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Sport and technology are allies in overcoming limits

Competitions help stimulate the creation of better facilities for those who deal with disabilities

Daniel Dias was born with congenital malformation of the arms and right leg. He discovered the sport for 16 years and today is the largest Brazilian medalist with 10 golds, four silvers and one bronze won in Paralimpíadas Beijing (2008) and London (2012), and 14 titles and six world records. Terezinha Guilhermina has a congenital disability that she lost vision. She used the sport as a form of rehabilitation and is now considered the fastest sprinter in the world blind, having broken the world record in the 100 meter sprint and won the gold medal of the London Paralimpíadas (2012). Natalia Mayara was hit by a bus when he was only two years old and had her two legs amputated. The sport was essential to his recovery and today it accumulates various national and South American titles tennis in wheelchairs, and the current Parapan American champion in singles and doubles.

These stories are just a few examples of how sport can help not only the rehabilitation of people with disabilities, but also in improving the quality of life and overcoming limits. These athletes will be representing Brazil at the Paralympic Games in 2016, taking place 07-18 September at Rio de Janeiro. For over 10 days of competition, the carioca capital will receive 4,350 athletes from 178 countries to compete in 23 sports.

Visually impaired, mental, cerebral palsy, with neurological, amputees and wheelchair loss can participate in different categories – and in different functional classifications – the Paralimpíadas Rio 2016. According to the World Health Organization (WHO), disability is a term “guard -Rain “covering disability, limitation of activity and restriction of participation in any activity. “Disability is not only a health issue, it is a complex phenomenon involving the interaction of people with their bodies and society, overcoming limits and acceptance,” says Luciana Clark, Scientific Communication Director of Evidence – Kantar Health.

Still according to WHO, one in seven people in the world has a disability – are more than one billion people on the planet! Only in Brazil, 23.9% of the population (over 45 million people) have at least one of the four surveyed disabilities (visually, hearing, motor or intellectual), according to the 2010 census conducted by the Brazilian Institute of geography and Statistics (IBGE). “If we consider only the motor and intellectual disabilities, we have 8.4% of Brazilians, or 16 million people affected,” says Clark.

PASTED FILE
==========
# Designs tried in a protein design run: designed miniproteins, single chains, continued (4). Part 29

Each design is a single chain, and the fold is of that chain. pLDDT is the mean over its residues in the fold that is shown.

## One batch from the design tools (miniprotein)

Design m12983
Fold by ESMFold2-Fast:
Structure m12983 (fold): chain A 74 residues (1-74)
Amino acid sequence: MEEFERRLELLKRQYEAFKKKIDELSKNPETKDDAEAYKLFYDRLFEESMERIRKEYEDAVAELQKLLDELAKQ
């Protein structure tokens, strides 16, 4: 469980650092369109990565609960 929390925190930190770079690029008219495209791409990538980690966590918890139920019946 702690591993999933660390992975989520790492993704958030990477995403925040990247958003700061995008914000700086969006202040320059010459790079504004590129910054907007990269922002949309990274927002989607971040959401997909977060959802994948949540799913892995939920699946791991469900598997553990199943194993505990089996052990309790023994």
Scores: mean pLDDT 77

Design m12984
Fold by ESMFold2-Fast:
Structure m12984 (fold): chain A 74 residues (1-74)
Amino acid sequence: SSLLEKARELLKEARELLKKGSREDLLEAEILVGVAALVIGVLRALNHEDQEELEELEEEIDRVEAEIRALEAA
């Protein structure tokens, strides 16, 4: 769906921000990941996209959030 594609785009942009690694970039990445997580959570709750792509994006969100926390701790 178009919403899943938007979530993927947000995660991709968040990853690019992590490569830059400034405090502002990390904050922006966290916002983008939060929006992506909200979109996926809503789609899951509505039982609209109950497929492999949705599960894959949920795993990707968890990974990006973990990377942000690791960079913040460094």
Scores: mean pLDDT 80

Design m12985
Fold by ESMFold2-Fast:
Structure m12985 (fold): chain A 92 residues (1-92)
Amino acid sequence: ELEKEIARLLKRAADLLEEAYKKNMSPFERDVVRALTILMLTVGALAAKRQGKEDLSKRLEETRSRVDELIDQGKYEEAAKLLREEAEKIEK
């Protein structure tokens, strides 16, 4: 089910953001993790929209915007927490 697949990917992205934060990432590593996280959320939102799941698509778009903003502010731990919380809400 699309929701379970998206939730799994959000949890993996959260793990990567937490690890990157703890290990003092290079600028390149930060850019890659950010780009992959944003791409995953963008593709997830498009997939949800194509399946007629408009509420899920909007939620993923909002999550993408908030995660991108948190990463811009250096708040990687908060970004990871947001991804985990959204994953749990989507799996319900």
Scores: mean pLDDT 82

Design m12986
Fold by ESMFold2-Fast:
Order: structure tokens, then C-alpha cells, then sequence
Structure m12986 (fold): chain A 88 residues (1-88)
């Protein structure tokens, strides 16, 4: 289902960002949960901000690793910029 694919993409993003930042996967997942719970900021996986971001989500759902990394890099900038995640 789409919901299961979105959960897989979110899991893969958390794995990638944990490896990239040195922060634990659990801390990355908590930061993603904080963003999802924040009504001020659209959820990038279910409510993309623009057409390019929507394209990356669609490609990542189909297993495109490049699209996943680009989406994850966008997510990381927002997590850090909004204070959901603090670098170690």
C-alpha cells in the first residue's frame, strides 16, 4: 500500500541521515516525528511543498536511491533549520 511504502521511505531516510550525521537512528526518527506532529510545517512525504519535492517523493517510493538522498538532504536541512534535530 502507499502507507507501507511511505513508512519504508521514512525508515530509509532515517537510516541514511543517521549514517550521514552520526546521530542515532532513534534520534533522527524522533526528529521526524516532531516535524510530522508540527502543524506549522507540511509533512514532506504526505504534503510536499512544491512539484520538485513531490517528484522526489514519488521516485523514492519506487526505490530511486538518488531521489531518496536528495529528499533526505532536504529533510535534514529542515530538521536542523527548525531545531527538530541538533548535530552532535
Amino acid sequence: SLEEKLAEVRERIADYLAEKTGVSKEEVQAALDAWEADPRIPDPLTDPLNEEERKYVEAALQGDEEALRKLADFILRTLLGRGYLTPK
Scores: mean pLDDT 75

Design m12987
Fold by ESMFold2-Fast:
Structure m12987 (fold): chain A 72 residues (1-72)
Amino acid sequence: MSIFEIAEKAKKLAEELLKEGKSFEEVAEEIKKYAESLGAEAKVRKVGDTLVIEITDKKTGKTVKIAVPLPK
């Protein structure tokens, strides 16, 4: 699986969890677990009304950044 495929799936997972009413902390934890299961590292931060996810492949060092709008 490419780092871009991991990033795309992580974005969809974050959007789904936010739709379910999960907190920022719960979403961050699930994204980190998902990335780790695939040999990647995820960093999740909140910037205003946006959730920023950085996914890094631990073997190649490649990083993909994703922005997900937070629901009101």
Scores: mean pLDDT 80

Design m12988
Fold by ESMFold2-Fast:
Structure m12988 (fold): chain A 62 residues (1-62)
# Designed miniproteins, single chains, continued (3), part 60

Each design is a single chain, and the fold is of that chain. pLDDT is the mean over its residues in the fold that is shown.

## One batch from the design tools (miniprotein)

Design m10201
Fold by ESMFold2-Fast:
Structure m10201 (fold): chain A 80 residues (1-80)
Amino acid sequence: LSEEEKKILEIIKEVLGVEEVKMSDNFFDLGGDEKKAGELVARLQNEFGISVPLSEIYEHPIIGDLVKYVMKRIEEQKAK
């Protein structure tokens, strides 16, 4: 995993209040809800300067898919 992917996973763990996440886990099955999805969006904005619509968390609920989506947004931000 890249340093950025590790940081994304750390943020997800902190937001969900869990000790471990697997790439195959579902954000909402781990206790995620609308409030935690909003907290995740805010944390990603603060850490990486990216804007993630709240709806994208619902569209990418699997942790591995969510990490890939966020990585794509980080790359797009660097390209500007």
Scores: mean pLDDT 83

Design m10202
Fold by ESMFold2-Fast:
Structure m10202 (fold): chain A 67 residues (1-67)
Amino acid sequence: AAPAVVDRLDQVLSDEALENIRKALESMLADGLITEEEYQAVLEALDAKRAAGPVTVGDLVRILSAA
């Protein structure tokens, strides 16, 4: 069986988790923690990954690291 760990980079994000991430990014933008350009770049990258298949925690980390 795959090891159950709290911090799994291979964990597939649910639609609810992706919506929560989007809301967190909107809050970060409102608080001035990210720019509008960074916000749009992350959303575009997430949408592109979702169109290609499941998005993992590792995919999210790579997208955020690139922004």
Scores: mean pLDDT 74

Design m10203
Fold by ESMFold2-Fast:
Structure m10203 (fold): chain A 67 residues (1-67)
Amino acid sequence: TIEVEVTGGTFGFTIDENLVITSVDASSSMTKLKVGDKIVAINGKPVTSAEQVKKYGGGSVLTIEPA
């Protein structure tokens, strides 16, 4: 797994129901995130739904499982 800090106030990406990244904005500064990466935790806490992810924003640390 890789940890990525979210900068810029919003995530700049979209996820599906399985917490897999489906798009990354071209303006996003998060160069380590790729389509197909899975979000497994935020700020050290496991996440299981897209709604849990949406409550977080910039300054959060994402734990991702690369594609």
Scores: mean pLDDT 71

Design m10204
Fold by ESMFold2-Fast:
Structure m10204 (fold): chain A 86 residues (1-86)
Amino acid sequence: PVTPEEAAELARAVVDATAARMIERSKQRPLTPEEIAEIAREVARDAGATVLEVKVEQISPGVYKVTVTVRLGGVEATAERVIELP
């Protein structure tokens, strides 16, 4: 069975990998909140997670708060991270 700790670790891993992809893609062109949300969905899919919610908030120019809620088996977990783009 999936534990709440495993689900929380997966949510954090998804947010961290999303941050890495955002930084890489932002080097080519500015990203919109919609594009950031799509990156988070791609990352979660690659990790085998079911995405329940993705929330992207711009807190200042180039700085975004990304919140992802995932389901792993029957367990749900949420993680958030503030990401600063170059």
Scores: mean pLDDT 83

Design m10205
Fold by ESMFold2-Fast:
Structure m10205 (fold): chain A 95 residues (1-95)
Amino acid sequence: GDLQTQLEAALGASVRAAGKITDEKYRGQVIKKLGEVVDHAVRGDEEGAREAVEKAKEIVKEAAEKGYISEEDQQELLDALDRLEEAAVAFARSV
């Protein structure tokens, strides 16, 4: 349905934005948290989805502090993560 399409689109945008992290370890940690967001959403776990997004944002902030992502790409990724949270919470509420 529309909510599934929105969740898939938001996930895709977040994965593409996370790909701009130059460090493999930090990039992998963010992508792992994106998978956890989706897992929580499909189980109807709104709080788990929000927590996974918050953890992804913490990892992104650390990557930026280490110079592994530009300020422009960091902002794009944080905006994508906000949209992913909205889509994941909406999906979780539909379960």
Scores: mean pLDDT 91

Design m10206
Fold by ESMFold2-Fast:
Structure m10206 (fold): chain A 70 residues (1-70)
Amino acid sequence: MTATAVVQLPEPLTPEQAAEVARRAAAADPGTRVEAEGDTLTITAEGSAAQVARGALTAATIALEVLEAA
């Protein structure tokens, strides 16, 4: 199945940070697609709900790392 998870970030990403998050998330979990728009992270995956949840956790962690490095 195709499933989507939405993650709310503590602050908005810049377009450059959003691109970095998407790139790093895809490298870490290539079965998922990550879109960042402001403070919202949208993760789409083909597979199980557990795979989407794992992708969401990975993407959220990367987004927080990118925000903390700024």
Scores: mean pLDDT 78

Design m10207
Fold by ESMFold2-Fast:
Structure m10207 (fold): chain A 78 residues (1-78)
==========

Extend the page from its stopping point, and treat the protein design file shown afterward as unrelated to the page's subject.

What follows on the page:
Overcoming through sport, with technology as an ally

For people with disabilities, sport can help – a lot – not only rehabilitation but also in quality of life. Sport promotes social integration, leading the individual to rediscover it is possible, despite the physical limitations, have a healthy life and make friends.

“The medical literature shows that physical activity and sport bring many benefits in the psychological, social and physical levels for the general population and especially for patients with physical or mental disabilities. Among the benefits found are improved aerobic capacity, reduced cardiovascular risk, lower incidence of infections, medical complications and hospitalizations as well as improved self-esteem, independence and socialization, “says Clark.

Sport can also help in a roundabout way these people with disabilities: the development of new technologies. Millions of people worldwide rely on orthotics, prosthetics, wheelchairs and other devices to improve their quality of life. However, current technology does not allow these people to have full independence or comfort: wheelchairs can not climb stairs, arm prostheses can not simulate all the hand movements. To make this technology forward, it takes a lot of study and investment, and that’s where sports can collaborate.

The technology targets, and improve performance, make the most comfortable and user adapted to yield the maximum in competitions and return to perform the tasks of day-to-day. This is the case of prostheses dubbed ” blade runners “, made ​​of carbon fiber, which mimic the action of the ankle during a race, while compressing against the ground and storing kinetic energy released by the athlete at the time of decompression of the blade.

For amputated athletes above the knee, there is a way to maintain the natural movement of the legs by means of mechanical knees where small cylinders, which operate the hydraulic base provide stability and minimize energy loss, ensuring that the entire force generated the athlete is employed in a push – which helps a lot in jumping performance in distance, for example. In the case of wheelchairs, some manufacturers even test the speed and resistance of the same wind tunnel, leading to improvement of its aerodynamics, light weight and even comfort.

These major innovations are developed for the sport and for the most extreme situations that happen in big competitions like the Paralimpíadas Rio 2016. This is where these technologies are put to the test and the benefit certificate in competitions can be adapted to the everyday prosthesis and built for even the non-athletes – today, carbon fiber legs can be used even in everyday life, with a design less “aggressive” than the athletes. And all these technological advances, coupled with the sport, can do much to improve the quality of life of people with disabilities.

 

Source: Kantar Health – Evidence

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